FDA Rule Would Preempt Stricter State Laws
WASHINGTON, DC -- January 27, 2006 -- A federal rule about prescription drug labeling attempts to preempt stricter state labeling laws. Drafted by the federal Food and Drug Administration (FDA), the new rule makes label inserts more uniform and easier to understand, according to the agency. However, consumer groups charge that the rule would allow drug companies to escape liability for failure to warn about a drug's dangers as long as it met minimum federal labeling standards. The state protections against companies that make unsafe drugs such as Vioxx® would be weakened, they say.
The FDA rule was first issued as a proposal in December, 2000. It is now scheduled to go into effect on June 30, 2006, after laying dormant for over five years. The language allowing the preemption of state labeling laws was added at the last minute, without debate and a proper public comment period, according to consumer groups. In fact, in 2000, the FDA assured the public that the "proposed rule does not preempt state law" (Notice of Proposed Rulemaking, Fed. Reg. Vol. 65, No. 247, p. 81103).
"The Food and Drug Administration is attempting a back-door approach to preempt state prescription drug product liability laws despite Congress and the courts' refusal to grant them such power," said the National Conference of State Legislatures (NCSL), a bipartisan group providing research to state legislators and their staffs (Press Release, January 13, 2006). The organization sent a letter of protest to the FDA stating: "It is unacceptable that the FDA would not permit the states to be heard on language that has a direct impact on state civil justice systems nationwide."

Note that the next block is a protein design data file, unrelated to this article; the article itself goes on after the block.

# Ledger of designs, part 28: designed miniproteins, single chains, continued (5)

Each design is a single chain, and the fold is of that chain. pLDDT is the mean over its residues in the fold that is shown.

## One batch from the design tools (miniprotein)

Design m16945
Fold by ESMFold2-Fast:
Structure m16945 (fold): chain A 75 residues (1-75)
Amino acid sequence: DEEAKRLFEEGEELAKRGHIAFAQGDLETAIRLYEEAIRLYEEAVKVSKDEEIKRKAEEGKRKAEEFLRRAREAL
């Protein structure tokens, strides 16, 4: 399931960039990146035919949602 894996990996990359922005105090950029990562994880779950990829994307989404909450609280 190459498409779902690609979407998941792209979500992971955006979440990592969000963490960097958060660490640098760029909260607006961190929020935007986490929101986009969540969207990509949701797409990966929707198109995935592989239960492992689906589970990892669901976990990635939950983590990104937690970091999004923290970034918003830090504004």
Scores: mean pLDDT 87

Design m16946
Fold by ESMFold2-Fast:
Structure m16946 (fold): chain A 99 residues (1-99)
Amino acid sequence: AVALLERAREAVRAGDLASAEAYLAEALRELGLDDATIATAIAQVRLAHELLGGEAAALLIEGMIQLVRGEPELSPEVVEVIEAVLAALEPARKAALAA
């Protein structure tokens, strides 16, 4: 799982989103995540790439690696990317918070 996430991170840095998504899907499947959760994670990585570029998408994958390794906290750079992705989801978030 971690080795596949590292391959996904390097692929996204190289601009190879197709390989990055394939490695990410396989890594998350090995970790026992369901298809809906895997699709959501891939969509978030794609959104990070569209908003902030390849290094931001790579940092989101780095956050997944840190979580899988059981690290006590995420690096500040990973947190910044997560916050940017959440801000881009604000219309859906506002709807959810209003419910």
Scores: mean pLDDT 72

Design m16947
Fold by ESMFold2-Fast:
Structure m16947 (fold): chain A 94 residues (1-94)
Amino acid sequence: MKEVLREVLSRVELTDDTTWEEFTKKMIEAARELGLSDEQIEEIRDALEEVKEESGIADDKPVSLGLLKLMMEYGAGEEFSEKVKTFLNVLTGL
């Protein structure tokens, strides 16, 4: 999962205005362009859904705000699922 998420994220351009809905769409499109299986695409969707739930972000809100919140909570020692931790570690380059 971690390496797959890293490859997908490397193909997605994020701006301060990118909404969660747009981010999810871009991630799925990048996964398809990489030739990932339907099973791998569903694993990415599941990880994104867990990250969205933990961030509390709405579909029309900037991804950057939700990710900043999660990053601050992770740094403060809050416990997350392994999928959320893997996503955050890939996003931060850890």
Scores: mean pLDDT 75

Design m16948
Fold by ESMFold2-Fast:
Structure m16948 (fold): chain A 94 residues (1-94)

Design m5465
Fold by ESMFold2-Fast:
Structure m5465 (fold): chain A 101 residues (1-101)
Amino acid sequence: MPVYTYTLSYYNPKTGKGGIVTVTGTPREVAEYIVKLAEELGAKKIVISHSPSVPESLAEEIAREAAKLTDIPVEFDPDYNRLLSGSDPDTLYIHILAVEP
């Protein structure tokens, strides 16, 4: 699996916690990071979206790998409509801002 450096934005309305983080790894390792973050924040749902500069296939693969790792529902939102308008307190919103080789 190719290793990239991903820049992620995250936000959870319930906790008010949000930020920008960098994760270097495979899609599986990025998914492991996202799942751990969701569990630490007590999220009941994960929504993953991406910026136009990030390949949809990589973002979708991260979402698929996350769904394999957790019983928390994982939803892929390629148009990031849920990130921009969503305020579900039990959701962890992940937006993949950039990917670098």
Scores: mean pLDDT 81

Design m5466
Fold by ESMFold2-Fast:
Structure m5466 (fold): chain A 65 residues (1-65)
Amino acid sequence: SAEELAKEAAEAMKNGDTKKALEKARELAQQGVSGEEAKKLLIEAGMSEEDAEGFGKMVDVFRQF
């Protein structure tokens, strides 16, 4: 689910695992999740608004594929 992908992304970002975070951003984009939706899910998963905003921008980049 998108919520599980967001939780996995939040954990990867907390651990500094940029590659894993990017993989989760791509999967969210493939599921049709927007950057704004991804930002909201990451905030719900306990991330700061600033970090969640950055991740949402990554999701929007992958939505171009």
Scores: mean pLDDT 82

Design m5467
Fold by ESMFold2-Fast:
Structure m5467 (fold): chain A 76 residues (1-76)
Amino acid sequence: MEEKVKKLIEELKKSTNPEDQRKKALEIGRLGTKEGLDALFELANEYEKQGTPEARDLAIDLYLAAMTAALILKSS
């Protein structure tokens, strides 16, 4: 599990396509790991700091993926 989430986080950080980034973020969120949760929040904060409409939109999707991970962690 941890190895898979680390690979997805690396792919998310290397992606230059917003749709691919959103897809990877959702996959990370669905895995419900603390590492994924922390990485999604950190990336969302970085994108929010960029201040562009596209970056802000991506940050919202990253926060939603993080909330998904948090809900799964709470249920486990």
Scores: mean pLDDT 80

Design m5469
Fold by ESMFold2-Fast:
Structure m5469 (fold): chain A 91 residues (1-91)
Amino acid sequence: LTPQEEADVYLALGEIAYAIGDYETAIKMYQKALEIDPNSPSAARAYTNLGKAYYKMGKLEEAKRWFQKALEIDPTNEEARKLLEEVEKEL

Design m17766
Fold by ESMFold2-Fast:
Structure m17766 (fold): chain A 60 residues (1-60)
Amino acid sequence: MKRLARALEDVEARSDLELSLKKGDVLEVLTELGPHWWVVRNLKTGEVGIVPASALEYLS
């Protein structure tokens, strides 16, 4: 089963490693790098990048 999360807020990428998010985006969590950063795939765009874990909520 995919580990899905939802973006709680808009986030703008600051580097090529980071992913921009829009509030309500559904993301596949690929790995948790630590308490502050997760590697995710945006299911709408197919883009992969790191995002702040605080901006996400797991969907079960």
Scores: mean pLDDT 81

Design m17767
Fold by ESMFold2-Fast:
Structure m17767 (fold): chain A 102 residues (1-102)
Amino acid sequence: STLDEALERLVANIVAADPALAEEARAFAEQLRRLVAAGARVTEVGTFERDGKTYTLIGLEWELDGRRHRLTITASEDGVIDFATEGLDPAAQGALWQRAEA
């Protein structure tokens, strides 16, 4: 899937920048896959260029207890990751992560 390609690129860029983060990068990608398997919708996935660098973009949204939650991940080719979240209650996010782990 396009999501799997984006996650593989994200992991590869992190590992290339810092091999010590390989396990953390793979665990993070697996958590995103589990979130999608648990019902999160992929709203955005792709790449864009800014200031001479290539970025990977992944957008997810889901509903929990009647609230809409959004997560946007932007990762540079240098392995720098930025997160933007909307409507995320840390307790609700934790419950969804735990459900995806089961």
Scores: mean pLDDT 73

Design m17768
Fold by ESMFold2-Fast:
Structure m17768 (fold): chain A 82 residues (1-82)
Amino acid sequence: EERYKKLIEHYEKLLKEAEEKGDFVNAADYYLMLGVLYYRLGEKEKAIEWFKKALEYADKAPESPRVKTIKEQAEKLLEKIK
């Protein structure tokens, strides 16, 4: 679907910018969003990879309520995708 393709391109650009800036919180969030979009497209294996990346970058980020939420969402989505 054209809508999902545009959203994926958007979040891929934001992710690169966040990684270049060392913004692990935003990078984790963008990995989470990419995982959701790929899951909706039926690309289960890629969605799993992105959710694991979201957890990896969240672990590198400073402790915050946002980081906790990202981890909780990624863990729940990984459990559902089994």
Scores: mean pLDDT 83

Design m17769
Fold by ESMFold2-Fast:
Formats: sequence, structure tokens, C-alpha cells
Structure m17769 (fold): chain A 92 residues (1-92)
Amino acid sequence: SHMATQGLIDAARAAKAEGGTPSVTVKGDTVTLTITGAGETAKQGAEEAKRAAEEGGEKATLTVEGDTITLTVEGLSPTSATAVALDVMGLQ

"This is a sneak attack on consumer rights," said Joan Claybrook, President of the consumer group, Public Citizen (Press Release, January 18, 2006). "President Bush is once again abusing his executive powers, this time in his attempt to protect the big pharmaceutical companies from the consequences of their actions. Thousands of people in this country have died or been seriously injured by drugs approved by the FDA, and this administration is saying it doesn't think people should have any recourse."
Public Citizen commented that the new rule does simplify and prioritize drug information on the label insert, but patients continue to rely on patient information leaflets whose content is not carefully reviewed by the FDA. About half of these leaflets are inadequate, according to Public Citizen, because they lack correct and complete guidance about drug side effects and interactions.
Information About Unsafe Prescription Drugs
For the full text of the final FDA rule, see FDA News, January 18, 2006, scroll to "Final Rule: Requirements on Content and Format of Labeling for Human Prescription Drug and Biological Products," which is near the bottom of the page. Links to the files containing the final rule are listed below this heading. You will need a copy of Adobe Acrobat Reader to open these files. If you do not already have this software, you may download a free copy at the Adobe Acrobat web site.
At Brayton Purcell, we are concerned about medical problems caused by unsafe or ineffective prescription drugs. If you have been injured by a prescription drug, please feel free to contact us to learn about your legal options. We have been fighting for the rights of consumers for over 20 years and are well-versed in medical/legal issues.